The Wood-Fired Blog

Focaccia a Health Food?

I really like Focaccia. But there are times when I find myself thinking of it more as a weekend treat than a day-to-day staple. But today, there was a very fun article in the NY Times that may change all of that. I wish I had though of this myself.

From the Health section of the paper — Focaccia: One Basic Bread, Endless Delicious Options: Whole-Wheat Focaccia

Andrew Scrivani for The New York Times

Andrew Scrivani for The New York Times

The article not only explores different mixes of whole wheat and white flour (with all the trade-offs in density, flavor, texture, etc.), it also uncovers a great, new artisan whole wheat flour. Community Grains is a California company that works with mid-size farms to grow heritage grains and mills whole wheat flours using the entire wheat berry — with the bran and germ intact during milling. They are able to make a finely ground flour that is both light and airy, and genuine whole grain.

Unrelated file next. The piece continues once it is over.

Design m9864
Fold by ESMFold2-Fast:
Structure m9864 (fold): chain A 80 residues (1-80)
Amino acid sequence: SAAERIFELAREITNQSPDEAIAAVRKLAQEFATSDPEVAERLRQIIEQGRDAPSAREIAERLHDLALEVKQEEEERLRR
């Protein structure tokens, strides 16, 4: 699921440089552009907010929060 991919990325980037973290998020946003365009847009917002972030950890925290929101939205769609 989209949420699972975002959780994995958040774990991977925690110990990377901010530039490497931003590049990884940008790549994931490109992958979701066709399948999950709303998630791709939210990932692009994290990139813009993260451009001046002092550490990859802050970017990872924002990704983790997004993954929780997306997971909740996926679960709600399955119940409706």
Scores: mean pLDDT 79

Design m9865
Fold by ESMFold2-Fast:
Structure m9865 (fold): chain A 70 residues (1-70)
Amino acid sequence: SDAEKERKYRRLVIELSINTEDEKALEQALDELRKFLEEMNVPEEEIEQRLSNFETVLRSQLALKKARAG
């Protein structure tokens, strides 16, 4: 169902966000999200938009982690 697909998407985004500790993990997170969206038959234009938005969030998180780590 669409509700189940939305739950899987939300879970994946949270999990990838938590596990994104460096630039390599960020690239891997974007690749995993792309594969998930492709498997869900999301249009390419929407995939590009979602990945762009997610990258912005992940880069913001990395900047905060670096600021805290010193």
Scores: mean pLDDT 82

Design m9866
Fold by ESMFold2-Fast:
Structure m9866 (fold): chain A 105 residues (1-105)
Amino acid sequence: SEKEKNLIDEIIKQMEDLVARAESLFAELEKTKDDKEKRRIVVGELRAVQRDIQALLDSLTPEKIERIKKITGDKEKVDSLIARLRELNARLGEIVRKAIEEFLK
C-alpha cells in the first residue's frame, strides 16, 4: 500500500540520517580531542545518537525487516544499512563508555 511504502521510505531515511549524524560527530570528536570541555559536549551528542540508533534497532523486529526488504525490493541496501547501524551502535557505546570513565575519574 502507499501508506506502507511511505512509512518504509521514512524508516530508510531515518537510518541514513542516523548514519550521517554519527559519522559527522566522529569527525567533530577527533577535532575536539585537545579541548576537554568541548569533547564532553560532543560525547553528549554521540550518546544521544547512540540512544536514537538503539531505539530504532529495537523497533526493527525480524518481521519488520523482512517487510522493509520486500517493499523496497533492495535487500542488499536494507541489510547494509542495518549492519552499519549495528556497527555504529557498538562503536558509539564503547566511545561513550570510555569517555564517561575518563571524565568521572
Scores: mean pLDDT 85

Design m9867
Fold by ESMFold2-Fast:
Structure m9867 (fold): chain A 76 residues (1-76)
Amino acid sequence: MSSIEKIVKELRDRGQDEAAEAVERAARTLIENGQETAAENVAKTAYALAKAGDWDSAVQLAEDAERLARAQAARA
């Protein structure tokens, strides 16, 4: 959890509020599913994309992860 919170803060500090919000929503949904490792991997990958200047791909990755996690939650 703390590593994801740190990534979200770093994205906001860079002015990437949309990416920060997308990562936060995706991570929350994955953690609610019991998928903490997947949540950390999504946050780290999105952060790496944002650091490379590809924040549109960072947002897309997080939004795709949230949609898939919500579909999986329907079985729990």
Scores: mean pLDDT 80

You can find Community Grains here.

Community Grains

 

Here is what Michael Pollan has to say about them:

“Conventional milling technology splits off the bran and germ right at the beginning. If they are selling the whole grain, they just add those parts back in later, which apparently is not as good as keeping them in the whole time. That’s the Community Grains premise. Whole grain is one of the important things missing from the Western diet.”-Michael Pollan, Wall Street Journal Nov. 2011

Of course I ran out and bought 15 lbs. at our local Whole Foods. Focaccia for dinner.

The NY Times recipes is basically half white flour and half whole wheat, and 72% hydration. They add some olive oil to the dough along with a little sugar. I am trying it with 80% Community Grains whole wheat and 20% Central Milling Tipo 00 with 72% hydration. I probably could have gone higher with the water with all that whole wheat flour. But the flour is really, really nice. Silky soft and very extensible. You wouldn’t believe it was whole wheat.

This (and my new sourdough starter) is getting exciting.

 

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